By Lenny Brody. It should be clear that the United States has entered a classic political crisis. A large section of the American people no longer believe that either the Democrats or the Republicans can be trusted to run the country. This has come about as a result of the handling of the financial crisis. Many Americans believe that the financial elite in this country caused the current economic crisis. They see that the political elite, those in both parties, have not only refused to prosecute the financial criminals, but have actually rewarded them with bailout money.
The first response to the political crisis was the Tea Party movement. Although much of this movement has been and continues to be funded by corporate money, its appeal to masses of people stems from the recognition of the political crisis in our country.
The massive and sustained demonstrations in Madison, WI found their strength in the reaction to the growing corporate control of the U.S. and the corruption of traditional politicians. The Occupy Wall Street movement has permanently changed the political climate in our country. It has placed economic inequality (We are the 99%) and the demand for genuine democracy (This is what Democracy looks like) as the burning issues of the day.
This is the political environment that progressives find themselves in today. No discussion of strategy and tactics can take place that ignores this environment. Thus, the presidential and congressional elections in 2012 are unfolding under new and unprecedented conditions. First, the US (and the world) is mired in a fundamental, structural crisis of capitalism. The maneuvering room for those who run the country is very limited. They are not in a position to make serious concessions to the American people. Second, those who associate too closely with the Democratic Party will be rejected by the people. One of the lessons of Feingold’s loss in the last elections was his inability to separate himself from the traditional Democratic Party, and in particular the political positions of his party (many of which he disagreed with).
Progressives should reject the concept that independent politics means trying to push Obama or other corporate Democrats to the left, or forcing them to take up some progressive issues. Corporate Democrats are responsive only to the people who fund their campaigns. They cannot be “influenced” by public opinion. And as long as “public opinion” has no alternative to the corporate Democrats, we are powerless.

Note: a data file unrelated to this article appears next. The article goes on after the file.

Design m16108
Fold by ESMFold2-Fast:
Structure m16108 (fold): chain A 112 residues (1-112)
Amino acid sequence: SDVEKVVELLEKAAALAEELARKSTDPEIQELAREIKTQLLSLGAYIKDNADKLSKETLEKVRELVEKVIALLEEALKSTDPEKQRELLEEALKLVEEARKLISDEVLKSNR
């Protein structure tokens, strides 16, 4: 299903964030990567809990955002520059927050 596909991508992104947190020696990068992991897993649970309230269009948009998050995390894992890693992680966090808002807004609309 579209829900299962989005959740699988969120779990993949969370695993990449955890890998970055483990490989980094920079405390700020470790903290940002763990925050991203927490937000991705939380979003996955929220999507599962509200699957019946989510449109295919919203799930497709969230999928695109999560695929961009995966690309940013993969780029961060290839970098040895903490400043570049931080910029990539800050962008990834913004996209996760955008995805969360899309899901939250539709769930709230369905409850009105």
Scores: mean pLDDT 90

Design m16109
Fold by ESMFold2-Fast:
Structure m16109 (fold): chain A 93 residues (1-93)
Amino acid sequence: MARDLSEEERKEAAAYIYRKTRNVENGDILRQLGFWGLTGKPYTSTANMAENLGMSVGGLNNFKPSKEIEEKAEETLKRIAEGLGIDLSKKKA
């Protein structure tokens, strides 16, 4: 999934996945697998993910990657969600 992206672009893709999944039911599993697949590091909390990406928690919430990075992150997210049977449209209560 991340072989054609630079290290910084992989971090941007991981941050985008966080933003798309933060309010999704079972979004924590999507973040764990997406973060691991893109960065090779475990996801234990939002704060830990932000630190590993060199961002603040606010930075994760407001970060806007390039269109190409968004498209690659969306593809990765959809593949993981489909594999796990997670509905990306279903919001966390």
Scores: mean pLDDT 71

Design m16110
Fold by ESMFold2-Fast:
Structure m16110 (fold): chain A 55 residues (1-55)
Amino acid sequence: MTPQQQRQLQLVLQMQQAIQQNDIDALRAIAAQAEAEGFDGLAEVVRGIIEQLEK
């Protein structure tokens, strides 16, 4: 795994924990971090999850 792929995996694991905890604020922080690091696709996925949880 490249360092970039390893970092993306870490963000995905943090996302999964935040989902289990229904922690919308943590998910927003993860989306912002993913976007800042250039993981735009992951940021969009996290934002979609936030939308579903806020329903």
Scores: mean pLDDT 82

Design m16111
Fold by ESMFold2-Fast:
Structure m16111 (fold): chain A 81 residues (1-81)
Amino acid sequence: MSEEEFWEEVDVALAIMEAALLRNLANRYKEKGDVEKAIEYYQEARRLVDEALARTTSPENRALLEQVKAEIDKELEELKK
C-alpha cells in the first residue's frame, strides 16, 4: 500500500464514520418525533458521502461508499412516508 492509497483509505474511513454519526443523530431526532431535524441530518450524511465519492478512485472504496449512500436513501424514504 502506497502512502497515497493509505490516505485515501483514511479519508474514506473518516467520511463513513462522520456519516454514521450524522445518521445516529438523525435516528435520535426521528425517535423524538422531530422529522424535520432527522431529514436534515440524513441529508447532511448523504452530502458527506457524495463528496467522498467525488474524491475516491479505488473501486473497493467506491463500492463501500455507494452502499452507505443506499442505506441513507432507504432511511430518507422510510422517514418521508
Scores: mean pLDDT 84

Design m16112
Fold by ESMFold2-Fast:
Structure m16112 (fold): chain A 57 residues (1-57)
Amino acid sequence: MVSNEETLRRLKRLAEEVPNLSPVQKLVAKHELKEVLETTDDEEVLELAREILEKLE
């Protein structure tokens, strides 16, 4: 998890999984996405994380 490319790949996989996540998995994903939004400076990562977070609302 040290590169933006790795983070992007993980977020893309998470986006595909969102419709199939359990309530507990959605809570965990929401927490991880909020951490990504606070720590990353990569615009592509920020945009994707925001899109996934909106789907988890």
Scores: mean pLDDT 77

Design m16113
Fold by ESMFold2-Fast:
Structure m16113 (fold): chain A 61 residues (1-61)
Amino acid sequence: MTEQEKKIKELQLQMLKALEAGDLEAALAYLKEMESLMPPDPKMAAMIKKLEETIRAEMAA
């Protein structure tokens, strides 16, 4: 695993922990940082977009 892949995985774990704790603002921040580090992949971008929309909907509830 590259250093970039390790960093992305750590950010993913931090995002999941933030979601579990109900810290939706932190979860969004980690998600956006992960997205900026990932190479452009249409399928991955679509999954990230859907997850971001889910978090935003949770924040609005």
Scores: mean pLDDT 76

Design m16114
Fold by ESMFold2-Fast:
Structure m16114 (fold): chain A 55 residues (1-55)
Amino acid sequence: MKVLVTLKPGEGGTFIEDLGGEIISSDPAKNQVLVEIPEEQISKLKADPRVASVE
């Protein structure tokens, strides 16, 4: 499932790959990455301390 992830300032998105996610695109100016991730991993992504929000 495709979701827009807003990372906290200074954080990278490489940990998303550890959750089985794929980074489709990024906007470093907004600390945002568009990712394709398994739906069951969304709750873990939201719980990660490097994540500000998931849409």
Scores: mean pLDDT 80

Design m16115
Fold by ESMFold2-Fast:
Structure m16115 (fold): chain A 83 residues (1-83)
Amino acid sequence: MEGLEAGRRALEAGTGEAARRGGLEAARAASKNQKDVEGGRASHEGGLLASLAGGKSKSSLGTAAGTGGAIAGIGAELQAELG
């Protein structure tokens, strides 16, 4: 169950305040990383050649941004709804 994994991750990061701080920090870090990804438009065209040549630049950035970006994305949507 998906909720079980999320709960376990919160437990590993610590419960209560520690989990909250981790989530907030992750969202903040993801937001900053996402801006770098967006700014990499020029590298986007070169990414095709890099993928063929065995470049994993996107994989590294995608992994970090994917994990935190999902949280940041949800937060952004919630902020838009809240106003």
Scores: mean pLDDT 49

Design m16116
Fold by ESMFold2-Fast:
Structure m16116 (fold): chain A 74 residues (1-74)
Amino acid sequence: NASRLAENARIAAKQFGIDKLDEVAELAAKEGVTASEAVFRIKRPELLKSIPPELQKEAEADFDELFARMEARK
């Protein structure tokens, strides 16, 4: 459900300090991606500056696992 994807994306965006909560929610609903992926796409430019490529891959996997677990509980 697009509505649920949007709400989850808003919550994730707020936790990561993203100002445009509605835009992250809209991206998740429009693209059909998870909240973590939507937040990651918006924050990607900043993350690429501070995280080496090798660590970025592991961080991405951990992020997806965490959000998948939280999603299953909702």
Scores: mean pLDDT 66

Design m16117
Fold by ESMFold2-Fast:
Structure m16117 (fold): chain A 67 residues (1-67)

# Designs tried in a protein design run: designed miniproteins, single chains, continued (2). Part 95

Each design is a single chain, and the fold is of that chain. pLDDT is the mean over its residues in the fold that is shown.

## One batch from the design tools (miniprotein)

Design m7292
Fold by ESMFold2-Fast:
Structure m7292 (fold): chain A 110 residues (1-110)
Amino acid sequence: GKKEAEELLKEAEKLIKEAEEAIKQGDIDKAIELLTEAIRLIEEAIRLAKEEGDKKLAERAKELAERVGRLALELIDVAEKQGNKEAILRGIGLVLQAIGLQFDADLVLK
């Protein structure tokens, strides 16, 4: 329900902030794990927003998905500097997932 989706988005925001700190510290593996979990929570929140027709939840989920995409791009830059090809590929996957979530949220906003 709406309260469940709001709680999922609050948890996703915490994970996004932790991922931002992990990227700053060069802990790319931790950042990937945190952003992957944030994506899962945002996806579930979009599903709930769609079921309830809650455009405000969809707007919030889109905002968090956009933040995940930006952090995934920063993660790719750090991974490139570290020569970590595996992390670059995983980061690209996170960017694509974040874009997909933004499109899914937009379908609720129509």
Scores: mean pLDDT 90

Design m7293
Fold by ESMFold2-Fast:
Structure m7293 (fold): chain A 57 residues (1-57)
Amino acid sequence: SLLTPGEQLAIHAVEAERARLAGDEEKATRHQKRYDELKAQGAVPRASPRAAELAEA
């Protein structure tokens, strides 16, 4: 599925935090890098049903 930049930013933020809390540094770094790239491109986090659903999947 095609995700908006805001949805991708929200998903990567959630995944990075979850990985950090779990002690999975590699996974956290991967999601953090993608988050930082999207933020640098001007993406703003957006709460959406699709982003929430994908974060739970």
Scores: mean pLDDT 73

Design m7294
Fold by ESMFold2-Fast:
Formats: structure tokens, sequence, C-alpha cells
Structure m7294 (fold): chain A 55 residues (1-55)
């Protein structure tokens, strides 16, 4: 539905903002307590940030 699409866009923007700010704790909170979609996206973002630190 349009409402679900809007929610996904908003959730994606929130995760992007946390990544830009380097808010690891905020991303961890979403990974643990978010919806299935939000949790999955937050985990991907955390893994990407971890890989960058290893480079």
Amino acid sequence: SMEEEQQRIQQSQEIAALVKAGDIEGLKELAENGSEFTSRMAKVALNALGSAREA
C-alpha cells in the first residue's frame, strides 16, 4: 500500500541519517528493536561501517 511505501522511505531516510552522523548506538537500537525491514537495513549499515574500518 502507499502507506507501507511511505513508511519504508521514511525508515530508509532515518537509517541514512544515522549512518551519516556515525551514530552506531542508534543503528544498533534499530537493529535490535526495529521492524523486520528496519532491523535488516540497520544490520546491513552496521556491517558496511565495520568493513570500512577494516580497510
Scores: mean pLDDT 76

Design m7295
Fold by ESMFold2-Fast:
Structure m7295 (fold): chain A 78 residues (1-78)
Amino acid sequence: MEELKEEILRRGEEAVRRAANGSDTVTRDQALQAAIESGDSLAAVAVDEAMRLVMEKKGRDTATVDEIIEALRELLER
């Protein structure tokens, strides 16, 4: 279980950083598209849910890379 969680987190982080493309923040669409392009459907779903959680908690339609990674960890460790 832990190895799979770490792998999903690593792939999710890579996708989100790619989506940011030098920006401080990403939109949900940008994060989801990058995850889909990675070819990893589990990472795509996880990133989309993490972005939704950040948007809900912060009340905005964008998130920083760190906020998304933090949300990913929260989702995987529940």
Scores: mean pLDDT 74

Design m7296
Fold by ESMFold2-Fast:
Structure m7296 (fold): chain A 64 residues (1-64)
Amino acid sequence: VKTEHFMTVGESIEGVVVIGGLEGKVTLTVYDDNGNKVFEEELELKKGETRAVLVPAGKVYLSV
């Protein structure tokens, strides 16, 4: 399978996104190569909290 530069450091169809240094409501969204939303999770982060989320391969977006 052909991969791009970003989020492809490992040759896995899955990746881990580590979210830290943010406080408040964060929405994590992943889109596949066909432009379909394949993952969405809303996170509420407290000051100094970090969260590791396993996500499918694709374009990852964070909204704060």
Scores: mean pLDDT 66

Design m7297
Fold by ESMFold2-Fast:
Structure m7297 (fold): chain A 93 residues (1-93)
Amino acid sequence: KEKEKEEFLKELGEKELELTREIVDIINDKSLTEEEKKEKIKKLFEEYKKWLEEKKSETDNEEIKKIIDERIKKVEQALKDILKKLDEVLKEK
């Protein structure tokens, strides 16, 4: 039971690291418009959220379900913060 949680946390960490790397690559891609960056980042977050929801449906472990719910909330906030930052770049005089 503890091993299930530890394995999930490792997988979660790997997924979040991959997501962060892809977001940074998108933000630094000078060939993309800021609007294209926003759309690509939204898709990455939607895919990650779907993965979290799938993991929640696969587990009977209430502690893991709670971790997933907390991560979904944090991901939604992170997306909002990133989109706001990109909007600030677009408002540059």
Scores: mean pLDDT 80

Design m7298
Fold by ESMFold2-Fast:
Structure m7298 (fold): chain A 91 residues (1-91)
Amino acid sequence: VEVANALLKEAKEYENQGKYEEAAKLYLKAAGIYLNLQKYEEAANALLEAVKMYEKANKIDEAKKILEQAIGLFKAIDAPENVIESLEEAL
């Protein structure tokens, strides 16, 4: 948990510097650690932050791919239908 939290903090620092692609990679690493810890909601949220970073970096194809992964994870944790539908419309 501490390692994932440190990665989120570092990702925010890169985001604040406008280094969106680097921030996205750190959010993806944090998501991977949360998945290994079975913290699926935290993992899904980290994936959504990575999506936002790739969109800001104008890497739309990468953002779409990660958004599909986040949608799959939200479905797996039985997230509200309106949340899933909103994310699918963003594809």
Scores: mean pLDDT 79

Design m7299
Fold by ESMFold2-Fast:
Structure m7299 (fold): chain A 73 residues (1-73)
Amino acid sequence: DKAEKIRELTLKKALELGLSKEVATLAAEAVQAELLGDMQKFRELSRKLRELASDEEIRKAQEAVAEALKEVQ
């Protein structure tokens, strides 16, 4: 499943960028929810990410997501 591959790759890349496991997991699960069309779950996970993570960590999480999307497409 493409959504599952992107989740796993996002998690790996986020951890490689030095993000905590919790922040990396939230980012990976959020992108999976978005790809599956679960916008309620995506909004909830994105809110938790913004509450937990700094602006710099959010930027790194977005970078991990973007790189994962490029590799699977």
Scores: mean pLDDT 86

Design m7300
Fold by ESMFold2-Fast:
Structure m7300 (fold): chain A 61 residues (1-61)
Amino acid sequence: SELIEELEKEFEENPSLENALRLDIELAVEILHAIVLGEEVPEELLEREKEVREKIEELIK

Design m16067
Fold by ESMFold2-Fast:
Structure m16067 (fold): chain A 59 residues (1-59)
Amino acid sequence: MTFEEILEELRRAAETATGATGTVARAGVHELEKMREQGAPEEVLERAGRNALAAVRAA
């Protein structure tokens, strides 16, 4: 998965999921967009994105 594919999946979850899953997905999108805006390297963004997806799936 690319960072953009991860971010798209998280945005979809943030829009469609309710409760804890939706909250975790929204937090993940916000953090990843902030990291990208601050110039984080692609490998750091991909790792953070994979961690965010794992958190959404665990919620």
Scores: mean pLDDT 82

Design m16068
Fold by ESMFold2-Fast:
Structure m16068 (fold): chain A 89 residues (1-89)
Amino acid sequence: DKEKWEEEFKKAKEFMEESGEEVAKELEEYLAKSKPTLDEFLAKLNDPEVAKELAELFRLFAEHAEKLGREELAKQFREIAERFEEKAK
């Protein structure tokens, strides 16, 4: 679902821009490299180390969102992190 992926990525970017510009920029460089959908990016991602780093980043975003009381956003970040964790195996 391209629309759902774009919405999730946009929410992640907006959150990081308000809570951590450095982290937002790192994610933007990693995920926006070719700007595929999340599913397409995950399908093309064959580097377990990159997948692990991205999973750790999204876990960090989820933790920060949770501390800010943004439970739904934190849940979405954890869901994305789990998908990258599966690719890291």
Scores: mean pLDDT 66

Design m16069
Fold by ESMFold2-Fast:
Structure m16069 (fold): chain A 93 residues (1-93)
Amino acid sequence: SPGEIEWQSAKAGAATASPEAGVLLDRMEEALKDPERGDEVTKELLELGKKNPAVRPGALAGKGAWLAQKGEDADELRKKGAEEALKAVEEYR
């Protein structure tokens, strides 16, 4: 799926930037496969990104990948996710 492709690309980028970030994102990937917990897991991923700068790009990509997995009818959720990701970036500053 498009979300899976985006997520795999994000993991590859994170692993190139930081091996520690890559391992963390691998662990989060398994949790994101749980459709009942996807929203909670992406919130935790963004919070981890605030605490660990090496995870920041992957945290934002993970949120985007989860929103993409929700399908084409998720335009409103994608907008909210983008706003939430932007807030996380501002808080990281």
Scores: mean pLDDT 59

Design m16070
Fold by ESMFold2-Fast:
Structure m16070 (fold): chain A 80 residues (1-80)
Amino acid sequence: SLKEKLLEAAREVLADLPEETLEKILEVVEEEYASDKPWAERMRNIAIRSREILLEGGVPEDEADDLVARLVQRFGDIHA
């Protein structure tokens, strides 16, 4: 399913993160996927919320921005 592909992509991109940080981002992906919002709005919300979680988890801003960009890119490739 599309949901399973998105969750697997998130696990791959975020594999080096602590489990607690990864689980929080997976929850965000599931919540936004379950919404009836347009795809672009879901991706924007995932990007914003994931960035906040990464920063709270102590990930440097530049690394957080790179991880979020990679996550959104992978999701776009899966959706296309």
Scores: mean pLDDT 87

The activities and tactics of progressives must be guided by wheather or not those activities will build an independent political movement. Any association with Obama will be deadly. Any association with “liberal” candidates who are not truly independent of the corporate Democrats will be deadly. The lesser of two evils position has been taken away. The center in politics is not only weak, it is being destroyed. Those who advocate compromise in order to “fight the right,” only strengthen the corporate control of our country. No short term victories are possible until we build a powerful independent political movement which can lay the basis for a strong, mass based third party. This is the political context of the class struggle today. Furthermore, it is important we recognize that the possibility of such a third party is dependent on the growth and strength of the mass movements like Madison and the Occupy movement. Given the economic and political crisis, movements like these are certain to continue to arise.
Lenny Brody has been politically active for 50 years fighting in the interests of poor and working class people. He was involved in the civil rights movement in South Carolina and the anti Vietnam War protests during the 1960s. Since that time he has studied economics and theories of political change while continuing his political activism. Mr. Brody is working with the Chicago chapter of Progressive Democrats of America to build an independent political movement that will fight for and empower the victims of the current economic crisis.